TAYLOR v. WATKINS (October 14, 2010)

Corey Taylor is an inmate in Illinois prison. He claims that his jailers violated his civil rights. Among other things, he says that they contaminate his food, withhold his mail, and even beat him. He filed suit under § 1983 and requested permission to proceed in forma pauperis (IFP). This is not the first time that Taylor has made this sort of allegation. In fact, Taylor has three "strikes" (that is, he has filed at least three prior actions against government entities or employees that have been dismissed as malicious, frivolous, or for failure to state a claim). He therefore cannot proceed in forma pauperis under § 1915A unless he meets the in "imminent danger of serious physical injury" exception. He did allege imminent danger but the defendants challenged the allegation. Judge Murphy (S. D. Ill.) held an evidentiary hearing, concluded that Taylor was not in imminent danger, denied IFP status, and dismissed the case when Taylor failed to pay the fee. Taylor appeals and requests permission to proceed IFP on appeal.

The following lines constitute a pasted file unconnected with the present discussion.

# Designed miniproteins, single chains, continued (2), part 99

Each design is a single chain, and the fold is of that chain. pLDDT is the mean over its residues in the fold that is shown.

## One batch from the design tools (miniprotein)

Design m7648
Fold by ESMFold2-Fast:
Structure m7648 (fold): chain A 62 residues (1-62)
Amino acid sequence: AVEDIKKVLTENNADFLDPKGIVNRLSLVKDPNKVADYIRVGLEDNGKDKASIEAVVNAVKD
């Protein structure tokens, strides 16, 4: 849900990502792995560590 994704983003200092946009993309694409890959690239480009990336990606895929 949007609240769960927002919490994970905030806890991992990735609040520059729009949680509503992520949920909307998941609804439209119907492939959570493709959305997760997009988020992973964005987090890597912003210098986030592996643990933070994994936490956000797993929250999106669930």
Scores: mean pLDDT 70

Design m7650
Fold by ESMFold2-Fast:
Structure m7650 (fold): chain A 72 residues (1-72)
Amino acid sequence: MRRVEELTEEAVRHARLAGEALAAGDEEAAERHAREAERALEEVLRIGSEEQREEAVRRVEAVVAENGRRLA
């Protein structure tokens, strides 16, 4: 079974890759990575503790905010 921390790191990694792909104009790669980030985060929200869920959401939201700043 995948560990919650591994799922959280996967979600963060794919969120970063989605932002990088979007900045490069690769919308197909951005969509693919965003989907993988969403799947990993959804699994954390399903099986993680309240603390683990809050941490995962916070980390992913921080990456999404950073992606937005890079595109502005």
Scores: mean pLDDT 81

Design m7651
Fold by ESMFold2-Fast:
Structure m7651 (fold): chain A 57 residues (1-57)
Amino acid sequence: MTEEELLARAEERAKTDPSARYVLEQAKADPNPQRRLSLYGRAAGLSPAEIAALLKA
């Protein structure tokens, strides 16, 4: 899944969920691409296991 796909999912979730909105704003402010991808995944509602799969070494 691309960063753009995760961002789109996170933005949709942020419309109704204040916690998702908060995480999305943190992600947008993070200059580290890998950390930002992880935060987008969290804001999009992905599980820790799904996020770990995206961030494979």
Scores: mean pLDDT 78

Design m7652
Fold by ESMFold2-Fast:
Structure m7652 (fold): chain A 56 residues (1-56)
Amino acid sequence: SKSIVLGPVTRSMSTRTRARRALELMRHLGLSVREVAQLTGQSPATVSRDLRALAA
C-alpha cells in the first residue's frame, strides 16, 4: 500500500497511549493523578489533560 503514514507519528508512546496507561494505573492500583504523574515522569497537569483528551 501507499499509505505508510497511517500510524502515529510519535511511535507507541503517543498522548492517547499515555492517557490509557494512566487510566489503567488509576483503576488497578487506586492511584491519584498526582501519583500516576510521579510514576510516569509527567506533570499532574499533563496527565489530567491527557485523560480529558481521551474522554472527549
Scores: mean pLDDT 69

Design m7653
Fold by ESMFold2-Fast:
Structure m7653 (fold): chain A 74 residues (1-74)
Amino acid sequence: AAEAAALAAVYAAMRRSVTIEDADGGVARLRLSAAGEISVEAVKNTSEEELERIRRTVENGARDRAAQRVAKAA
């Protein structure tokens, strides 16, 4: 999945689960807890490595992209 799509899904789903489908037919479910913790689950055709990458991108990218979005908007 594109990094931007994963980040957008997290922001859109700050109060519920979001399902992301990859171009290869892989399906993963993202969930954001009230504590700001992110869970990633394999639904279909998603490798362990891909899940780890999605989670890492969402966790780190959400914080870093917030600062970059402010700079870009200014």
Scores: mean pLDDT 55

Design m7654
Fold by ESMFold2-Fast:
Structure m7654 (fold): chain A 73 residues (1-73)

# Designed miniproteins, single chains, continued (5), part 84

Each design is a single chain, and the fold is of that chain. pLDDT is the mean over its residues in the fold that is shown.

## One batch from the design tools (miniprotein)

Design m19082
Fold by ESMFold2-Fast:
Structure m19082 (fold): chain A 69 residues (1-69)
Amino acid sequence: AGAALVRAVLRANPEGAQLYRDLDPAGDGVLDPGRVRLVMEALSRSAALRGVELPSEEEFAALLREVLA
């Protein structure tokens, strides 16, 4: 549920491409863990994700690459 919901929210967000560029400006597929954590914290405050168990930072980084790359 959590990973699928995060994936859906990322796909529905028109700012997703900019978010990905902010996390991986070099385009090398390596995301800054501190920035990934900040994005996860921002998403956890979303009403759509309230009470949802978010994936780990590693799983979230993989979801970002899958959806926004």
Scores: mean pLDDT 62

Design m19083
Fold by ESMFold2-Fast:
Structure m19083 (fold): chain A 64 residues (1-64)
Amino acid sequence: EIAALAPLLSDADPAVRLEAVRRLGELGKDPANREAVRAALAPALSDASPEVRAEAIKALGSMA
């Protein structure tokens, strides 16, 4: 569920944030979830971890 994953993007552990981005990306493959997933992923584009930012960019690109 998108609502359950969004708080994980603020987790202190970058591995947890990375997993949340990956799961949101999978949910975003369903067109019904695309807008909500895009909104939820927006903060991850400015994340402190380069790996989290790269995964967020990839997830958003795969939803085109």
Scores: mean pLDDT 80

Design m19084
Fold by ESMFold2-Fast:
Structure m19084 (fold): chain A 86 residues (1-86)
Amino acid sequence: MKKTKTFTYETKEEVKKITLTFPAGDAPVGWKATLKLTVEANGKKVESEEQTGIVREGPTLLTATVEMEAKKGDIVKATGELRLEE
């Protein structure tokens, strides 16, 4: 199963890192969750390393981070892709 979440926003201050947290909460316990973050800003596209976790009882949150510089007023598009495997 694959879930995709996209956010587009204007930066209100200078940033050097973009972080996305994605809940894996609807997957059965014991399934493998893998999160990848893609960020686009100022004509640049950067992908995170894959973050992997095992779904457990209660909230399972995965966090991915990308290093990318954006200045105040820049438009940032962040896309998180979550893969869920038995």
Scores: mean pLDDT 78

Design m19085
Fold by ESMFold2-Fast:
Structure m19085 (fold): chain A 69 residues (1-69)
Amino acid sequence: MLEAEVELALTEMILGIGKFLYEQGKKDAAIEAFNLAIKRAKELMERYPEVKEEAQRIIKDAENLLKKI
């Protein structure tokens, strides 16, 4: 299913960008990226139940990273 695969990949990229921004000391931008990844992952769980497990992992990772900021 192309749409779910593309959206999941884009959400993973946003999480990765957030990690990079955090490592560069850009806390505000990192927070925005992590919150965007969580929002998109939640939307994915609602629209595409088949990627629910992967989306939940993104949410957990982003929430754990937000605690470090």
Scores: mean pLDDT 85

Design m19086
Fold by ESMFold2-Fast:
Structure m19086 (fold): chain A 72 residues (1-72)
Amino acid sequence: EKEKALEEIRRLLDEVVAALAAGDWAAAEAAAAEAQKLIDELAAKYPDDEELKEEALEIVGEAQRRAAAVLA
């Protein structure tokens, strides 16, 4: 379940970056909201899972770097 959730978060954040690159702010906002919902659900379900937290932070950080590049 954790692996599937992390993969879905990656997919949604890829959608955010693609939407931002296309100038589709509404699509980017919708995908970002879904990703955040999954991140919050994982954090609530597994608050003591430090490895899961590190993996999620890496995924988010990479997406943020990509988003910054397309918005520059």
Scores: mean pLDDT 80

In their opinion, Judges Kanne, Wood, and Hamilton denied his request to proceed IFP and gave notice that the appeal would be dismissed if Taylor failed to pay the docketing fee within 14 days. The Court cited the Third Circuit's distinction between challenged and unchallenged imminent danger allegations. If the allegation is unchallenged, it is accepted as true. If the defendants challenge the allegation of imminent danger, however, the court must resolve that question before proceeding. The Court stated that its decision in Ciarpaglini is not to the contrary. There, the defendants did not deny the allegations -- they simply argued that the allegations did not meet the imminent danger threshold. The district court did the proper thing here in conducting a hearing to resolve the allegations of imminent danger.